When applied in the health sector, AI-based applications raise not only ethical but legal and safety concerns, where algorithms trained on data from majority populations can generate less accurate or reliable results for minorities and other disadvantaged groups.
Antimicrobial resistance (AMR) is one of the defining global health threats of our time, but no international legal instrument currently offers the framework and mechanisms needed to address it. Fortunately, the actions needed to address AMR have considerable overlap with the actions needed to confront other pandemic threats.
The advent of artificial intelligence (“AI”) holds great potential to improve clinical diagnostics. At the same time, there are important questions of liability for harms arising from the use of this technology. Due to their complexity, opacity, and lack of foreseeability, AI systems are not easily accommodated by traditional liability frameworks. This difficulty is compounded in the health care space where various actors, namely physicians and health care organizations, are subject to distinct but interrelated legal duties regarding the use of health technology. Without a principled way to apportion responsibility among these actors, patients may find it difficult to recover for injuries. In this Article, I propose that physicians, manufacturers of clinical AI systems, and hospitals be considered a common enterprise for the purposes of liability. This proposed framework helps facilitate the apportioning of responsibility among disparate actors under a single legal theory. Such an approach responds to concerns about the responsibility gap engendered by clinical AI technology as it shifts away from individualistic notions of responsibility, embodied by negligence and products liability, toward a more distributed conception. In addition to favoring plaintiff recovery, a common enterprise strict liability approach would create strong incentives for the relevant actors to take care.
Dennis Lindberg came into his aunt’s care when he was in the 4th grade because his parents struggled with drug addiction and could not provide for him. At thirteen, he was baptized in his aunt’s faith as a Jehovah’s Witness. Just days after he turned fourteen, on November 6, he was diagnosed with acute lymphoblastic leukemia.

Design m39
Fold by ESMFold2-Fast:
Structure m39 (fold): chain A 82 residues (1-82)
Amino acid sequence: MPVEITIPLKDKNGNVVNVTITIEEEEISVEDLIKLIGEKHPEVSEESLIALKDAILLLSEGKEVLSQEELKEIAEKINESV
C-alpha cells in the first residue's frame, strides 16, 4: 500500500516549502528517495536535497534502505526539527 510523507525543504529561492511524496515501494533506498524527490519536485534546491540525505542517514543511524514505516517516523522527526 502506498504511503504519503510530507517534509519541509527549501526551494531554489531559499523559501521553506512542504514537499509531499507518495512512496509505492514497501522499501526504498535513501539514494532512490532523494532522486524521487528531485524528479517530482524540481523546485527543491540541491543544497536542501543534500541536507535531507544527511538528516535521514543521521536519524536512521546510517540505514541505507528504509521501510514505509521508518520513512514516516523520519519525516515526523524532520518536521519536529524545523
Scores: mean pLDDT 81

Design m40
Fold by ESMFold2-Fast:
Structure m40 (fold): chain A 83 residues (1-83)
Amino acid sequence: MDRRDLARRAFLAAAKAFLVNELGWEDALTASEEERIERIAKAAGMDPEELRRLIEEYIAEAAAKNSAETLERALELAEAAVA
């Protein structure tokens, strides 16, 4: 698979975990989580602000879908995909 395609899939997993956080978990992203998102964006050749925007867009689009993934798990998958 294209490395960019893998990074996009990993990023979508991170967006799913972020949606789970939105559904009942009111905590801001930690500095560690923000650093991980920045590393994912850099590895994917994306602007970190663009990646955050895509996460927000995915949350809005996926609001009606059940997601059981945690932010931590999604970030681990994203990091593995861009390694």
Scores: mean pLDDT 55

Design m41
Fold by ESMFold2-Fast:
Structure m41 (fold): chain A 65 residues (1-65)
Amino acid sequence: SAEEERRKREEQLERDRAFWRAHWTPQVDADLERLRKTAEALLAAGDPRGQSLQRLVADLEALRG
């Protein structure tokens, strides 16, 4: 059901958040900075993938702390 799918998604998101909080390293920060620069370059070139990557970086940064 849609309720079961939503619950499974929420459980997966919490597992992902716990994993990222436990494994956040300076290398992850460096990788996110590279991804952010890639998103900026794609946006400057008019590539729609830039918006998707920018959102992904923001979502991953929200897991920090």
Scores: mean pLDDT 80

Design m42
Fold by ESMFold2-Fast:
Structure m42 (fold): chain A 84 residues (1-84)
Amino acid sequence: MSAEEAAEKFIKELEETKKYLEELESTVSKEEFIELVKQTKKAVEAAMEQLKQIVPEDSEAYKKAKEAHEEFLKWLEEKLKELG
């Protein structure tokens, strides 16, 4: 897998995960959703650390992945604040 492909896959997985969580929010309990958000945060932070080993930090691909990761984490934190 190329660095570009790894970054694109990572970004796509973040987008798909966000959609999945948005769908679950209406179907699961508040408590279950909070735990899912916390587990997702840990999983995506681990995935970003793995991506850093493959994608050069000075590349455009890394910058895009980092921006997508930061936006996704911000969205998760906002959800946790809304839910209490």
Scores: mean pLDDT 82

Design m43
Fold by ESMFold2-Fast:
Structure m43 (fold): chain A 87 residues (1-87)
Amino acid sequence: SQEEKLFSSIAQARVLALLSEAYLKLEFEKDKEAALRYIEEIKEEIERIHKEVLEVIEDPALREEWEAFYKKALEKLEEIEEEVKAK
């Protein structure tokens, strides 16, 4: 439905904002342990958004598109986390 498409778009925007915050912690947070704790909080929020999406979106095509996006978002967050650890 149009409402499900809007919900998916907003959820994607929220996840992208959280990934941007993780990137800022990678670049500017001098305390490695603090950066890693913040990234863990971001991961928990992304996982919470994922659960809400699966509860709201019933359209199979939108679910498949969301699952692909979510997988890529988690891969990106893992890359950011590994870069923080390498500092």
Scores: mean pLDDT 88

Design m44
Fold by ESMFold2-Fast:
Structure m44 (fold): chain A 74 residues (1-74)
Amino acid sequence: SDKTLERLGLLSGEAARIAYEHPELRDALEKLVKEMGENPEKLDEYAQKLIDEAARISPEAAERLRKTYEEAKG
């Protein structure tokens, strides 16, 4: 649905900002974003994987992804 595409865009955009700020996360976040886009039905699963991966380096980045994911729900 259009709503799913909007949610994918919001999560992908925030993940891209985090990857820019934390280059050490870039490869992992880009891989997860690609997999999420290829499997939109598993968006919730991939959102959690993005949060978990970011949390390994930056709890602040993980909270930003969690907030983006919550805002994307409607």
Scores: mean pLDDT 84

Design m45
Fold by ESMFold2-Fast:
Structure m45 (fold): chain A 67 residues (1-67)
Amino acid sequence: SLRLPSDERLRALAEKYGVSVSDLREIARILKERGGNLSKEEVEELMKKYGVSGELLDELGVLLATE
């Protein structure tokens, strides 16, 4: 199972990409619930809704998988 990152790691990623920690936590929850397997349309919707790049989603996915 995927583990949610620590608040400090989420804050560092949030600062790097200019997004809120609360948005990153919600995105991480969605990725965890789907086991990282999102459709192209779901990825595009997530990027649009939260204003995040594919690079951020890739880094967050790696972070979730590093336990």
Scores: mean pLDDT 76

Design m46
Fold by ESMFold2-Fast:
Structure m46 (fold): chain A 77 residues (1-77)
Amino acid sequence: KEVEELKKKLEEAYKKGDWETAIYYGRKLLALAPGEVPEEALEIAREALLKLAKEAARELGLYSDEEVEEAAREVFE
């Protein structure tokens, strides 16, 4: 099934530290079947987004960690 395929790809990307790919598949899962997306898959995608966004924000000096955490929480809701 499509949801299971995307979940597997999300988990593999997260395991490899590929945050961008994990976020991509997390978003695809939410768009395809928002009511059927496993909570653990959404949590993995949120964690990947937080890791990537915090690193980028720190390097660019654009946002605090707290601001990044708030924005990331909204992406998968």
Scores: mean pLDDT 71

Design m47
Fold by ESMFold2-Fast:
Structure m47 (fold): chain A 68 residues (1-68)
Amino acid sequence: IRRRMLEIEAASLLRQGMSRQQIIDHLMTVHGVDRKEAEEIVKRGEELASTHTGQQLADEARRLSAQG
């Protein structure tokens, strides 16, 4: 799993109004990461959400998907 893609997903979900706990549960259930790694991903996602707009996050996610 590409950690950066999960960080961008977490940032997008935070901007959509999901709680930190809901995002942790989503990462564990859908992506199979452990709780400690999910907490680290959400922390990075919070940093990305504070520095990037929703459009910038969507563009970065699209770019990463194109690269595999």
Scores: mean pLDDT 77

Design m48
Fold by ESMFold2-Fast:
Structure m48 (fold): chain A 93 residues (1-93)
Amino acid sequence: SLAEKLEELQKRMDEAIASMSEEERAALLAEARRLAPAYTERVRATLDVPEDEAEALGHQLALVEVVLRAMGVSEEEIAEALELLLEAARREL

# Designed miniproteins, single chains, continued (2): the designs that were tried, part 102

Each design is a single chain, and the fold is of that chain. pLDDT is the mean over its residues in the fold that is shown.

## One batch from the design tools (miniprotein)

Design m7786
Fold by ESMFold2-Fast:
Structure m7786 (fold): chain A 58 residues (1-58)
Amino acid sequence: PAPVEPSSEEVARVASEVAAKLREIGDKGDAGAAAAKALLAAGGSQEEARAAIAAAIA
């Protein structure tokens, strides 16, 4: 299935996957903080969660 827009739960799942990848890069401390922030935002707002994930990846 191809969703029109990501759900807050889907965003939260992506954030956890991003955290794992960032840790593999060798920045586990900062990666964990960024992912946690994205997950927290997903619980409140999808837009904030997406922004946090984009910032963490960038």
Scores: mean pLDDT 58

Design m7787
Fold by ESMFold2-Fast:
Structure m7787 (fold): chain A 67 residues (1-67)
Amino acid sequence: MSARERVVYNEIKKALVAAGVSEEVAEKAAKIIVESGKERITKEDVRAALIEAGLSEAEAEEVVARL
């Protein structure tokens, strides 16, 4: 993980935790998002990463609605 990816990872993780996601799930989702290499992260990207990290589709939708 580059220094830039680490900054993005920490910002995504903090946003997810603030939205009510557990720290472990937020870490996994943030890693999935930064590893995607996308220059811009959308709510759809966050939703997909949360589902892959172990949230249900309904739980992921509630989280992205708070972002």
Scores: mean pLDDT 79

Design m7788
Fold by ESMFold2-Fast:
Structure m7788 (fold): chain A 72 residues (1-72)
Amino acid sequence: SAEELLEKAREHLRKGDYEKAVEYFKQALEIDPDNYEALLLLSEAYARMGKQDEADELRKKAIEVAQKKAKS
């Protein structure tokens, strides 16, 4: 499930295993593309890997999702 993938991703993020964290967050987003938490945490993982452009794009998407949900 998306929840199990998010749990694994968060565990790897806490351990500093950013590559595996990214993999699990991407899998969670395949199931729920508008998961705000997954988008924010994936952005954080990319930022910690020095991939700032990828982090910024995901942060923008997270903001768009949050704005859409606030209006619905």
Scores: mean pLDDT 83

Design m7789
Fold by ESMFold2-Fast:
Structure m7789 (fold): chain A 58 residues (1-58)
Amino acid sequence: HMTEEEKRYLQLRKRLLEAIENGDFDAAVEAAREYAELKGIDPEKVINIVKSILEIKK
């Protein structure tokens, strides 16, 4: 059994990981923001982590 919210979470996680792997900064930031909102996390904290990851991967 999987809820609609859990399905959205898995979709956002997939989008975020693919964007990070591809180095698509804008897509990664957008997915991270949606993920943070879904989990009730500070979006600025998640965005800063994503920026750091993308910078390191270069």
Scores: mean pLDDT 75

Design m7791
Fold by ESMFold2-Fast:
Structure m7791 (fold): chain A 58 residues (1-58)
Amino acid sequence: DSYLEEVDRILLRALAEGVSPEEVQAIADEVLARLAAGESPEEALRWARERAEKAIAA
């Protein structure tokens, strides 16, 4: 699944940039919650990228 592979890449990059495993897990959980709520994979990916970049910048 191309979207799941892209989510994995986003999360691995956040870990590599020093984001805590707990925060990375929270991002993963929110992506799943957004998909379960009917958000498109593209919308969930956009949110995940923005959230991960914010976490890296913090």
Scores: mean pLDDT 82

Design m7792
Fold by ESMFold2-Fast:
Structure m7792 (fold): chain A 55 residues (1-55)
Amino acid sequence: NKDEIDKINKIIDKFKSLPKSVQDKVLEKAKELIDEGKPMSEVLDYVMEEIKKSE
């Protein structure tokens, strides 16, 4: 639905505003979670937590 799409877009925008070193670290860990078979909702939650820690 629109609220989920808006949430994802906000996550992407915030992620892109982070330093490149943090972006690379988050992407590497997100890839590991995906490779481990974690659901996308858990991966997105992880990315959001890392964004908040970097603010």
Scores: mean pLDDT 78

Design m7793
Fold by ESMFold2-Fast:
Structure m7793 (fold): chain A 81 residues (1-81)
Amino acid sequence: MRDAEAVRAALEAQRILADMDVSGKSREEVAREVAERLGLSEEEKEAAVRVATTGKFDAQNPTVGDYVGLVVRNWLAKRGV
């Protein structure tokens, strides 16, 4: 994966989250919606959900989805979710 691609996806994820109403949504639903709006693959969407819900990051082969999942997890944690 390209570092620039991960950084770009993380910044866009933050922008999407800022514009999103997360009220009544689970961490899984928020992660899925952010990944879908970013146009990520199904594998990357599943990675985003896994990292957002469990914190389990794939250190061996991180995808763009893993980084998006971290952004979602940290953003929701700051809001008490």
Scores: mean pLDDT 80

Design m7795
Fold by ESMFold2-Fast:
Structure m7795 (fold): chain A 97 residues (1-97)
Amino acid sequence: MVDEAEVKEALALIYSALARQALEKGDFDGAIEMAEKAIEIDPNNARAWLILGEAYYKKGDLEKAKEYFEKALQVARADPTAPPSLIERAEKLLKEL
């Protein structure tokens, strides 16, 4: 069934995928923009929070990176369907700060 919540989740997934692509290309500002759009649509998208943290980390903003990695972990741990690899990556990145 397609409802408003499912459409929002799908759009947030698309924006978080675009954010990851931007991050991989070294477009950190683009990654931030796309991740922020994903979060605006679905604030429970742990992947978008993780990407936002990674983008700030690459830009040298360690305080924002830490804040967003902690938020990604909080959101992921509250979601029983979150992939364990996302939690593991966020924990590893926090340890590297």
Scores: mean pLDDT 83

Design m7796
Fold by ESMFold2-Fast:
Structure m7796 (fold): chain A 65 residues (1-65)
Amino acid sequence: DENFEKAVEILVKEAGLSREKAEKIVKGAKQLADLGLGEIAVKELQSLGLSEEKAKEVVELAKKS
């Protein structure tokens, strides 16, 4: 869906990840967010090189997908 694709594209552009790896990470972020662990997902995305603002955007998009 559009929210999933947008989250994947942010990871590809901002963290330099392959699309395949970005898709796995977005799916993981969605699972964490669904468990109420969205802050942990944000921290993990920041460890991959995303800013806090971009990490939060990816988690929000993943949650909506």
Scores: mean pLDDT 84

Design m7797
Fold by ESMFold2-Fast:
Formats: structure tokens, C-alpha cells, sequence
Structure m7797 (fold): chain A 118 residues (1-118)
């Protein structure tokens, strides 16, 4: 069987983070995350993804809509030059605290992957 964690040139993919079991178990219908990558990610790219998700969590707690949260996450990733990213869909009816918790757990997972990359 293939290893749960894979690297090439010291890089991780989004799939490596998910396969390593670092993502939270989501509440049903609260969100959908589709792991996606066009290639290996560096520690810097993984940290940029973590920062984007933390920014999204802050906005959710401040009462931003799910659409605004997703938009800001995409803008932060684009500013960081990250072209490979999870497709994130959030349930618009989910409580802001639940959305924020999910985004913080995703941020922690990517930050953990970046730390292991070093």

The prognosis was that Dennis had a 75% chance of cure with standard oncology treatment. Consistent with the requirements of his new faith, however, Dennis told his doctors, “I do not want to be treated if the requirement is that I would have to take a blood transfusion.” His aunt, whose custodial rights seem not to have included medical decisionmaking, was adamant that “[t]his is Dennis’s decision.”
The hospital social worker assigned to Dennis’s case assured his aunt that “having just turned 14, [he] could be considered mature enough to make his own decisions.” But hospital psychologists declined to evaluate Dennis’s maturity because they did “not have the tools for such an assessment.” Established hospital policy described the failure to provide a minor with necessary, life-saving care as medical neglect. Hospital ethicists advised that Dennis’s autonomy interests were outweighed by the benefits associated with treatment. And, standard oncology practice norms are that doctors should push back against minors’ lifesaving treatment refusals. Still, Dennis’s doctor agreed with his social worker and aunt, saying, “We owe respect to a 14-year-old[.]” In this view, he was supported by colleagues on staff and by hospital counsel.
A county judge got the case only at the eleventh hour, on an emergency motion filed by Dennis’s parents and Child Protective Services for a declaration of dependency and to compel the necessary transfusion. Although Dennis was degrading rapidly, his doctor testified that if a transfusion were ordered that day, Dennis still had a 70% chance of survival. The judge had no background in the applicable law and no time to research the issues; nevertheless, he denied the motion concluding, “It is time to do what Dennis has decided.” “Seven hours later, at 6 p.m., on Nov. 28, Dennis died.”1
Based on an analysis of relevant laws and policies, regulator data portals, and information requests, we find that clinical data, including clinical study reports, submitted to the European Medicines Agency and Health Canada to support approval of medicines are routinely made publicly available.
Five international consensus statements on concussion in sports have been published. This commentary argues that there is a strong need for a new approach to them that foregrounds public health expertise and patient-centered guidance. Doing so will help players, parents and practitioners keep perspective about these potentially life-altering injuries especially when they recur.
This essay explores the long Western history of anxieties about feigned illness connected specifically to social policy. There is a remarkable consistency of such anxieties across time, as they appear in almost every major historical period in the West since the Middle Ages.